Cordyceps Tincture Dual Extraction
Label: Beneficial Botanicals
Botanical Name: Cordyceps militaris
Other Names: Caterpillar fungus
Parts Used: fruiting bodies (full spectrum)
Gluten Free: yes
Extract Process: double extraction
Menstruum: organic alcohol, fresh living spring water
Alcohol by Volume: 45%
Origin: USA, domestically cultivated
This double extracted Cordyceps mushroom is made from the fruiting bodies of domestically grown C. militaris. The wild version of Cordyceps (C. sinensis), found on the Tibetan plateau in China, is considered a national treasure there. It is as valuable as gold, costing thousands of dollars per ounce. For this reason, obtaining the fungus in the wild is unsustainable, both ecologically and economically. Fortunately, C. militaris can easily and identifiably be domestically cultivated and has a compound profile very similar to C. sinensis. In fact as an added bonus, C. militaris produces the compound cordycepin in higher amounts than found in the wild C. sinensis.
What is a Double Extraction Method? In order to extract both alcohol and water soluble chemical compounds from this type of fungus, a dual method of extraction must be used to capture all the health benefits it has to offer. This process requires soaking the mushroom material for a period of time in alcohol followed by a hot water decoction for optimal extraction.
[tab name="Use / Dosage"]
Known for its many uses, in vitro and in vivo studies have indicated the following potential benefits. For a comprehensive summary of scientific research and studies on Cordyceps, refer to Stephen Buhner’s book Herbal Antivirals: Natural Remedies for Emerging & Resistant Viral Infections beginning on page 288.
Exercise Performance & Muscle Fatigue – Known to boost energy and increase the body’s production of the molecule ATP (adenosine triphosphate), essential for delivering energy to the muscles, improving the way the body uses oxygen, especially during exercise for older and younger adults.
Anti-Aging Properties – Antioxidant benefits may help improve memory and sexual function.
Type 2 Diabetes – Helps in the management of Type 2 Diabetes by mimicking the action of insulin.
Kidney Function – 100 mg/day for 3 months significantly improved kidney function and slowed the progression of chronic kidney disease in a human trial.
Cancerous Tumors – Cordyceps shows potential anti-tumor effects, slowing the growth of many types of tumors. See research on-line for specific tumors.
Cholesterol, Triglycerides, and other Heart Protective Effects – Cordyceps may be used as a treatment for arrhythmia and other heart protective effects due to the adenosine content, especially noted in C. militaris. In animal studies, the LDL (“bad” cholesterol) and triglycerides levels were shown to decrease. Another compound, cordycepin, appears to have actions that relax blood vessels, improving circulation and lowering blood pressure.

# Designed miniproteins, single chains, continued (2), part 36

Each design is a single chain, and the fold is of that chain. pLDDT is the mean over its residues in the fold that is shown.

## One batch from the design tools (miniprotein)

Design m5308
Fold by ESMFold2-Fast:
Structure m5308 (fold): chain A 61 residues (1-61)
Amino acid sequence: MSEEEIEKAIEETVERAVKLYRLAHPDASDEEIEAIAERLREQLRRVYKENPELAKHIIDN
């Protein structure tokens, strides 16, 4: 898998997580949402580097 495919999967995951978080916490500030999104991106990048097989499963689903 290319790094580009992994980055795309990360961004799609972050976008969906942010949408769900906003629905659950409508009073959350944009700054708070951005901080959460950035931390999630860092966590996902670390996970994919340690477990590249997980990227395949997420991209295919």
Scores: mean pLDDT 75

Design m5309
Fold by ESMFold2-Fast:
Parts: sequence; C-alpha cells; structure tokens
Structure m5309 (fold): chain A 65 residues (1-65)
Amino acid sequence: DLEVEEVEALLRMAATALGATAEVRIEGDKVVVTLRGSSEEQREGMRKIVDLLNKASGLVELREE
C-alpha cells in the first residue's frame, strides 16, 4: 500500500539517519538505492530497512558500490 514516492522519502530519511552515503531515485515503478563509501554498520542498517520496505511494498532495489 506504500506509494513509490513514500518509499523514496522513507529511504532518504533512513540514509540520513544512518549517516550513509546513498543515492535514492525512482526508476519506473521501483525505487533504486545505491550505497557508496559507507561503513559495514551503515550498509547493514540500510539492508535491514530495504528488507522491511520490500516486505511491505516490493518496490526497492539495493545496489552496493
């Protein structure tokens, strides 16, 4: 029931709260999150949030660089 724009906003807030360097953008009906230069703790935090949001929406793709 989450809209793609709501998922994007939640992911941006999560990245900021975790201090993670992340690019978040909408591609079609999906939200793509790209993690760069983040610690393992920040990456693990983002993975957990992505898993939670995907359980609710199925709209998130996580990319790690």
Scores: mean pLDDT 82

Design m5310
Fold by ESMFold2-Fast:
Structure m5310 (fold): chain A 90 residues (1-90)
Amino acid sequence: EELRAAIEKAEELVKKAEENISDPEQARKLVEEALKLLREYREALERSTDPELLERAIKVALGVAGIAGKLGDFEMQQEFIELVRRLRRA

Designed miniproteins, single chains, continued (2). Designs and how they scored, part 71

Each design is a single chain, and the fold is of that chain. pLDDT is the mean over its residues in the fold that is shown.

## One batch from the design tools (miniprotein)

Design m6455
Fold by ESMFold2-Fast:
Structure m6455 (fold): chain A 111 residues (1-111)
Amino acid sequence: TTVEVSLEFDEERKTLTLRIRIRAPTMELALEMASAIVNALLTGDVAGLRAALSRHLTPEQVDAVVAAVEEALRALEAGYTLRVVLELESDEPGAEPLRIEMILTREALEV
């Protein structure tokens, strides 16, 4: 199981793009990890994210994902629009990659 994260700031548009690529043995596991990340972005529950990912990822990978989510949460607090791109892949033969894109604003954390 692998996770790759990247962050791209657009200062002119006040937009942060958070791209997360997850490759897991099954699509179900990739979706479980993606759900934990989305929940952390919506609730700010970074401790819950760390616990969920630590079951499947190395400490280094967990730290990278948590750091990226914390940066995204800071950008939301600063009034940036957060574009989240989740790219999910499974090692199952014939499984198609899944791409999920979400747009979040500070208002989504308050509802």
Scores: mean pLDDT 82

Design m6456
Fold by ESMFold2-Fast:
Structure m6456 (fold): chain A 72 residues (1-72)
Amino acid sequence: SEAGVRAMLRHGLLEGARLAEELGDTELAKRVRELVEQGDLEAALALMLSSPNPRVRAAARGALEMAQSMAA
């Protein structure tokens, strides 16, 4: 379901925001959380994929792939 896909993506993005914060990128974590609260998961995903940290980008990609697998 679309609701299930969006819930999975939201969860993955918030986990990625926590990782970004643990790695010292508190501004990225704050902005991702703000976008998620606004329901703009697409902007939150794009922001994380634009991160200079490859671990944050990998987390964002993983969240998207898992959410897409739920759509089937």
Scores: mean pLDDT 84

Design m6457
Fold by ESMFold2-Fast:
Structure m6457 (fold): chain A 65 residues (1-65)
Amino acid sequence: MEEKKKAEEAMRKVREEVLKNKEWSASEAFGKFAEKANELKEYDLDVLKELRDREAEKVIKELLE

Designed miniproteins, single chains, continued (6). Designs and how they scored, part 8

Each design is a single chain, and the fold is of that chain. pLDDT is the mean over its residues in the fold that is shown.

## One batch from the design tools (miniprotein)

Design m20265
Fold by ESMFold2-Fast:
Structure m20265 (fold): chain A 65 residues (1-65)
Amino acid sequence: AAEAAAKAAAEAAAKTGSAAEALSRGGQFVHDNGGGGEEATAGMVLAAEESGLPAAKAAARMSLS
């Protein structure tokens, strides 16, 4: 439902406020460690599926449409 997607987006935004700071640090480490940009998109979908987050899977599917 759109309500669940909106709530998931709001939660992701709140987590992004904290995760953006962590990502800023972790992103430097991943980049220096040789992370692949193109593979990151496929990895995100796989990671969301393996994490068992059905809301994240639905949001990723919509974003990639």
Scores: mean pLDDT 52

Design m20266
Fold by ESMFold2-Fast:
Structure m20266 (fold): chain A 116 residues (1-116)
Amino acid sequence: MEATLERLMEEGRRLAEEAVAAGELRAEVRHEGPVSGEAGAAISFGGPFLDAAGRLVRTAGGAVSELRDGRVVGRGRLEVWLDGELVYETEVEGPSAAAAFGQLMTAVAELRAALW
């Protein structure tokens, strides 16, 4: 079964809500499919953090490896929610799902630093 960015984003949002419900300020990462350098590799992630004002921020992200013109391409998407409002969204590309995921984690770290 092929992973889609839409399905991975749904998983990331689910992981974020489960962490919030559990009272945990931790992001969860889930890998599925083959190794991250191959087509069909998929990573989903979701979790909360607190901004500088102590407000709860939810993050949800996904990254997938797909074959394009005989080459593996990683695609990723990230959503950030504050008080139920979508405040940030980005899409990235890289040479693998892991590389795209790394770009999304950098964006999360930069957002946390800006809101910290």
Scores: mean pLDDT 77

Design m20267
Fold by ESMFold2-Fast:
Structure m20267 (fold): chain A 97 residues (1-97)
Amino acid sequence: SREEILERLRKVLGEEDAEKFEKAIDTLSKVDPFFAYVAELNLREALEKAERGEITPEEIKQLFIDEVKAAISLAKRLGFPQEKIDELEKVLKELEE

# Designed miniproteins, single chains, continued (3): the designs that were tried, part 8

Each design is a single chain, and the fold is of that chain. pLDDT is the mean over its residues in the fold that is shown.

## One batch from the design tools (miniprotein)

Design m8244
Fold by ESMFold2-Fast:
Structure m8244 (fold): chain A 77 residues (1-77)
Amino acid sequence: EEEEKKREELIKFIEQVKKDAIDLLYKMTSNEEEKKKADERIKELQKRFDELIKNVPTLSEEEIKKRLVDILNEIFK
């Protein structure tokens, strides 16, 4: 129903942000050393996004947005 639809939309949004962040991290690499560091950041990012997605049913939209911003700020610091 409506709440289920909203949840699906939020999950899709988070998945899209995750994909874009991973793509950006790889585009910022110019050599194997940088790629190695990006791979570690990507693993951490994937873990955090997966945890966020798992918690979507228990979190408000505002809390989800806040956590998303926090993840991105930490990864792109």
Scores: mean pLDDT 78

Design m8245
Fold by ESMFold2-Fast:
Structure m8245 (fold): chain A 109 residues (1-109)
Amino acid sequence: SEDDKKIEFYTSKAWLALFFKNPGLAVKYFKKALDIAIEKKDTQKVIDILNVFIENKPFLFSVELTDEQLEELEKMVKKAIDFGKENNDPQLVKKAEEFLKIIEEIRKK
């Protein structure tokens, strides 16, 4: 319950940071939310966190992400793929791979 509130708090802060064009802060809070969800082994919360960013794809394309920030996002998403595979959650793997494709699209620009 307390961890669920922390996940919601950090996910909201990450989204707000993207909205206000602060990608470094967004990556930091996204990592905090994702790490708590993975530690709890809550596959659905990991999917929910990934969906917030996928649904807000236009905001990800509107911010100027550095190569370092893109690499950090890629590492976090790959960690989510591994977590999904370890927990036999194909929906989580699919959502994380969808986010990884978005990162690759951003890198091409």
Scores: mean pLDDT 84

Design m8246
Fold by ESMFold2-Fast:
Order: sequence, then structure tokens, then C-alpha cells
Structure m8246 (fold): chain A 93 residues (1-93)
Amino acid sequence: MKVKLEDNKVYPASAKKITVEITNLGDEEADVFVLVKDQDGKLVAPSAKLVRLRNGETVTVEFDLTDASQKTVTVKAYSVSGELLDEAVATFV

Inflammation – When human cells were exposed to Cordyceps, proteins that increase inflammation in the body become suppressed.
It is suggested to take Cordyceps with a high quality vitamin C supplement to help assimilation. For those of you doing your research, you may find suggested dosages in milliliters or grams. Here are approximate equivalents (water weight): 1 gram = 1 ml = 0.0338 fluid oz. = 20 drops
For health maintenance : the known dosage is 20-40 drops 3 times per day, with meals.
For disease-specific dosages: It is best to consult with an alternative healthcare practitioner.
According to Christopher Hobbs, experimenting with Cordyceps for a period of six weeks is reasonable.
Avoid using Cordyceps if you have an auto-immune disease or bleeding disorder. Stop taking Cordyceps two weeks prior to a scheduled surgery. Because Cordyceps exhibits immunomodulatory activity, do not take with an immunosuppressant. Do not take Cordyceps with anticoagulant medications, antiplatelet drugs, testosterone, Prednizone, or other steroids.
Chamyuang, Sunita et al. “New insights into cordycepin production in Cordyceps militaris and applications.” Annals of translational medicine vol. 7,Suppl 3 (2019): S78. doi:10.21037/atm.2019.04.12
Steve Chen, Zhaoping Li, Robert Krochmal, Marlon Abrazado, Woosong Kim, and Christopher B. Cooper. The Journal of Alternative and Complementary Medicine. May 2010.585-590.
Scientific American. Sabrina Stierwalt, PhD. The Scientific Evidence for the Health Benefits of Cordyceps. October 2019.
Christopher Hobbs’s Medicinal Mushrooms: The Essential Guide. Storey Publishing 2020
The Fungal Pharmacy: The Complete Guide to Medicinal Mushrooms & Lichens of North America. Author: Robert Rogers, RH. North Atlantic Books 2011
Herbal Antivirals: natural Remedies for Emerging & Resistant Viral Infections. Author: Stephen Harrod Buhner. Storey Publishing 2013
These statements have not been evaluated by the Food and Drug Administration. The information provided here is intended to supplement, not substitute for, the expertise and judgment of your physician, pharmacist or other healthcare provider and should not be construed to indicate that the use of this herbal product is safe, appropriate, or effective for you. Consult your healthcare provider before taking this herbal product.